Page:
But we were all fascinated by the prospects of such a back-of-beyond trip; inspired by Jill’s resolute and charming belief in us; and reassured by Jill’s promise that boxed Chilean wine, in quantity, would fit in our saddlebags. So in January we found ourselves in a series of four flights from the U.S. on successively smaller aircraft that ended with a swirling, corkscrew approach to an airstrip near the tiny mountain town of Futaleufu, 700 miles south of the capital, Santiago.
Futaleufu (Foo-too-lay-foo), a ranching town, has some B&Bs and homestays largely because of its proximity to the mighty Futaleufu River. It roars out of the Andes, as-yet undammed, to create what is generally regarded as one of the world’s craziest white-water runs (No. 6 on Outside Magazine’s global crazy Top 10). For this, too, people flock from around the world.
Learning to ride
Here, we were greeted by Jill and her young local partner, Fabian, who would be our stolid, resourceful and playful guide, and horse wrangler-in-chief. Our transitions to gringo gaucho began immediately as we were issued our jaunty, knee-high chaps, intended to protect our legs from the saddles’ leather and cinch straps, and dense trees and shrubbery along the way.
Then we walked across town to a natural amphitheater in the side of a mountain, where scores of horsemen in striped serapes and black, flat-brimmed gaucho hats milled around a wooden corral. The air was filled with the scents of grilled skewers of lamb, beer — and anticipation. This was Futaleufu’s annual Gran Rodeo, where we joined the crowds to watch the local hombres, in pairs, nimbly herd calves on horses with a grace that seemed closer to dancing than work in the field.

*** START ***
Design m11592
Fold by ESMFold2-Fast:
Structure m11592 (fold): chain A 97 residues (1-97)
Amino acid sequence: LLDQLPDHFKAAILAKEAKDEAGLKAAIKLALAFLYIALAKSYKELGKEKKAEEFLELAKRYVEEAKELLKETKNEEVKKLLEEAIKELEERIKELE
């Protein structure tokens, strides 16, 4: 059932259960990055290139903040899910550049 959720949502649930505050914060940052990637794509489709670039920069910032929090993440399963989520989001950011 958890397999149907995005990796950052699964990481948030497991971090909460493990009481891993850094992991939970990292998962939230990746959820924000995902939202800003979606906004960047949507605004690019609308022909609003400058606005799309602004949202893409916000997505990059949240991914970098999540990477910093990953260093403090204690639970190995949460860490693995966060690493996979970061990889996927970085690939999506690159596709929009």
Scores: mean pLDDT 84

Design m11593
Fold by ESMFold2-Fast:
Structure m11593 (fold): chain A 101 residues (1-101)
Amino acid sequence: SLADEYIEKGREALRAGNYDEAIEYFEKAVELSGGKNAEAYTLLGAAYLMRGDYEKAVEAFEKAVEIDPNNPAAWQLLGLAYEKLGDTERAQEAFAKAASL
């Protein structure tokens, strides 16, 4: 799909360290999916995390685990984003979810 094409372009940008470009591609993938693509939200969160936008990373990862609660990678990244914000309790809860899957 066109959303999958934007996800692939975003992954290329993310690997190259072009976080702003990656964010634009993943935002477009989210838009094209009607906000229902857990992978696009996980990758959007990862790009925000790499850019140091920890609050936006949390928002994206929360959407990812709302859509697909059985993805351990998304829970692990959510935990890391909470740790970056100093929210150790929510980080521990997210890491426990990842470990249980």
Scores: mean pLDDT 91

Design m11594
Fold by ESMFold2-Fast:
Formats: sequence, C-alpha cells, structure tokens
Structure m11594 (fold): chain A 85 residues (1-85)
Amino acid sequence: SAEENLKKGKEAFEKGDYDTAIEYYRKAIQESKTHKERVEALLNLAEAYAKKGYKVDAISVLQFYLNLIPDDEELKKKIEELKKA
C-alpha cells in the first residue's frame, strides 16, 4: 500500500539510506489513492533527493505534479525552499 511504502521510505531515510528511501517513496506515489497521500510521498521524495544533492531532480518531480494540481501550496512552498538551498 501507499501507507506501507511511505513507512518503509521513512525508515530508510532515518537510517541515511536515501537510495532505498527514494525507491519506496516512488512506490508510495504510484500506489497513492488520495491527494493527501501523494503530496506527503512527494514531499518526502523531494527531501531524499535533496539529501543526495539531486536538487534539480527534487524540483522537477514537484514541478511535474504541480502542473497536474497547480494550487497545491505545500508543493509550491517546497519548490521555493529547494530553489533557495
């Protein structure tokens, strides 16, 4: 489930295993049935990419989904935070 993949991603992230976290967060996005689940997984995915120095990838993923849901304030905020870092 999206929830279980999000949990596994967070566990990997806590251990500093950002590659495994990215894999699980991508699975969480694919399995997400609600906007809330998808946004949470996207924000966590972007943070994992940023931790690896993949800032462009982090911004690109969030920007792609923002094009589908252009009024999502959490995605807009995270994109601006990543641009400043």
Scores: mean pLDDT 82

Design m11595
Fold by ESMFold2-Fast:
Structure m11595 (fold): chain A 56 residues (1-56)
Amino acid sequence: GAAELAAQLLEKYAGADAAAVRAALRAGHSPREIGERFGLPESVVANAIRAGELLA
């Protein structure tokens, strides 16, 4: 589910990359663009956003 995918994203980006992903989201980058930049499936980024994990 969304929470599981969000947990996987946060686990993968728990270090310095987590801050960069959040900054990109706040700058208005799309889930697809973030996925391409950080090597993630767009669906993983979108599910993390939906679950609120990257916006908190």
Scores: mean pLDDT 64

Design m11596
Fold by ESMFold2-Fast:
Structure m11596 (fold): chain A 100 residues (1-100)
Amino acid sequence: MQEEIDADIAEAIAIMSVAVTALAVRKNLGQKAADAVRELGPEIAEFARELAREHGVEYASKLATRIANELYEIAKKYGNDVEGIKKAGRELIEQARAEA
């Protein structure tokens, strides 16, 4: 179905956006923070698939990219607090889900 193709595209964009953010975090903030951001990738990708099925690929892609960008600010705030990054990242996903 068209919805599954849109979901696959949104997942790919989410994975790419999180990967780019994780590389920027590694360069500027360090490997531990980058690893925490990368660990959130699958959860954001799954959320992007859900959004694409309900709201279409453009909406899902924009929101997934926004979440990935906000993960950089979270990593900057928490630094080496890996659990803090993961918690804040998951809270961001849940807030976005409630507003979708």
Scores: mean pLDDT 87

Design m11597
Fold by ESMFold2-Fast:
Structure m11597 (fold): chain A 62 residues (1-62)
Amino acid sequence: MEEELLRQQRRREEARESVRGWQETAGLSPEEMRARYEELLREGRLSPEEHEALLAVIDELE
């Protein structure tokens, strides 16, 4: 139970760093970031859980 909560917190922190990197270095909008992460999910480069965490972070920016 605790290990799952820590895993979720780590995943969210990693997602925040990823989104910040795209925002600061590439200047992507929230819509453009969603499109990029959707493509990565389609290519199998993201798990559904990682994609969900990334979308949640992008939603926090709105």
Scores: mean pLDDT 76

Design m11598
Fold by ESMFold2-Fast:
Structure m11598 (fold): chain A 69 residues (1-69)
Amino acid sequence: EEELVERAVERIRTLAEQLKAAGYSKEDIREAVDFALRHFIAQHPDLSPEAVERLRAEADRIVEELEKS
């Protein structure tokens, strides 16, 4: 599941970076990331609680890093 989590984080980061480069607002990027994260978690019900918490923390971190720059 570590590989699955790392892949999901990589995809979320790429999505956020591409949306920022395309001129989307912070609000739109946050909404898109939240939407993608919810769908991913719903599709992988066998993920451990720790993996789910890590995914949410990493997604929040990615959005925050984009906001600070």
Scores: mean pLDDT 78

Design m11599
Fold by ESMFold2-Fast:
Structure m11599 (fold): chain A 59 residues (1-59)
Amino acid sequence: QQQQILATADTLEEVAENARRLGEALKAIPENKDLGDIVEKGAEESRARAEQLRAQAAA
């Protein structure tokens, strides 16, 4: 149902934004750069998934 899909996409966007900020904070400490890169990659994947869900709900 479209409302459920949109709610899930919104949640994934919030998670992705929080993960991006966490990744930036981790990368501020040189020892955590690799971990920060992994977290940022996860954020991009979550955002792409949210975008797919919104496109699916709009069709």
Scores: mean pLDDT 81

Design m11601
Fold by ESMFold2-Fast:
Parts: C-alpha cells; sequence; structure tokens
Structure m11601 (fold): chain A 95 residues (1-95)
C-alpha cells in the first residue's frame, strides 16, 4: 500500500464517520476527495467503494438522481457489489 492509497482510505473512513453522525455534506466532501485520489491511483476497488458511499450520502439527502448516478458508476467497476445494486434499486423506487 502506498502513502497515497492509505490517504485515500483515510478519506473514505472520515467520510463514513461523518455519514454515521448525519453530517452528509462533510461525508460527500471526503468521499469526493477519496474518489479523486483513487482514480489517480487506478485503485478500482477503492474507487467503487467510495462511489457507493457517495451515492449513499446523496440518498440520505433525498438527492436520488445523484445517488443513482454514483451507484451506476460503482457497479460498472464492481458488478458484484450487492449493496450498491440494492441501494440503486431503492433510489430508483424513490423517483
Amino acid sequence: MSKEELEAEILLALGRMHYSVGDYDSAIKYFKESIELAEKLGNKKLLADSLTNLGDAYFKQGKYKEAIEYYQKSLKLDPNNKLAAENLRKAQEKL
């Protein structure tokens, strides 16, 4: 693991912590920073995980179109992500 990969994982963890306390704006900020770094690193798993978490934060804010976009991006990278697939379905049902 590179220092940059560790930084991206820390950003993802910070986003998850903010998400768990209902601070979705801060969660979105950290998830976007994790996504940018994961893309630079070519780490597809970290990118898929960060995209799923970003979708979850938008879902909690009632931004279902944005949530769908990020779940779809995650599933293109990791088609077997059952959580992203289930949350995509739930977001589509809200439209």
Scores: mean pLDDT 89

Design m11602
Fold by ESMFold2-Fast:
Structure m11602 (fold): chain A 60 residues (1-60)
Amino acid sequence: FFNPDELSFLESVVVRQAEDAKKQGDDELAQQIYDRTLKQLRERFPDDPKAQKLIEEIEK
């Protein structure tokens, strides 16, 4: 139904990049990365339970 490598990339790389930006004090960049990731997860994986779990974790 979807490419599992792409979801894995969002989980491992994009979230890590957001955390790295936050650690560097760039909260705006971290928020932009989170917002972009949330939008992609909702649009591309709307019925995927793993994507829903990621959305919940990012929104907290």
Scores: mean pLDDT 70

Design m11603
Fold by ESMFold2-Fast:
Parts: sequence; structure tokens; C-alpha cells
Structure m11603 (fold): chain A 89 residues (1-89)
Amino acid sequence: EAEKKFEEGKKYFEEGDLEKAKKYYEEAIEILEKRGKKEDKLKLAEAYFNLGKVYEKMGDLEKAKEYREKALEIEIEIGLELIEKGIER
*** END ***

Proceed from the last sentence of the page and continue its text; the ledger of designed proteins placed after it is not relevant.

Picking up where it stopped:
This was our rousing preparation for the next morning, when we would meet our horses, saddle up and head into the Andes. The horses were beautiful — a mix of powerful bays, blacks, duns, dark chestnuts and mine, a prideful sorrel named Naronjo.
Despite our chaps and the rodeo’s vibe, the scene at the trailhead had the feel of the first day of kindergarten when everyone is learning to tie their shoes. Jill and Fabian, with sweet patience, went from horse to horse, checking cinches, adjusting stirrups, reassuring riders and sharing the advantage of grabbing a clump of mane and throwing your leg over the saddle from the uphill side.
We had been thoroughly briefed: Lean into the horse going uphill. Lean back going down. Choose your own pace. Trust the horse. The first day, we were told, would be a bit rough as we headed into the high country; then we’d have two days at that ranch atop the valley before cruising through a flatter section on Day 4.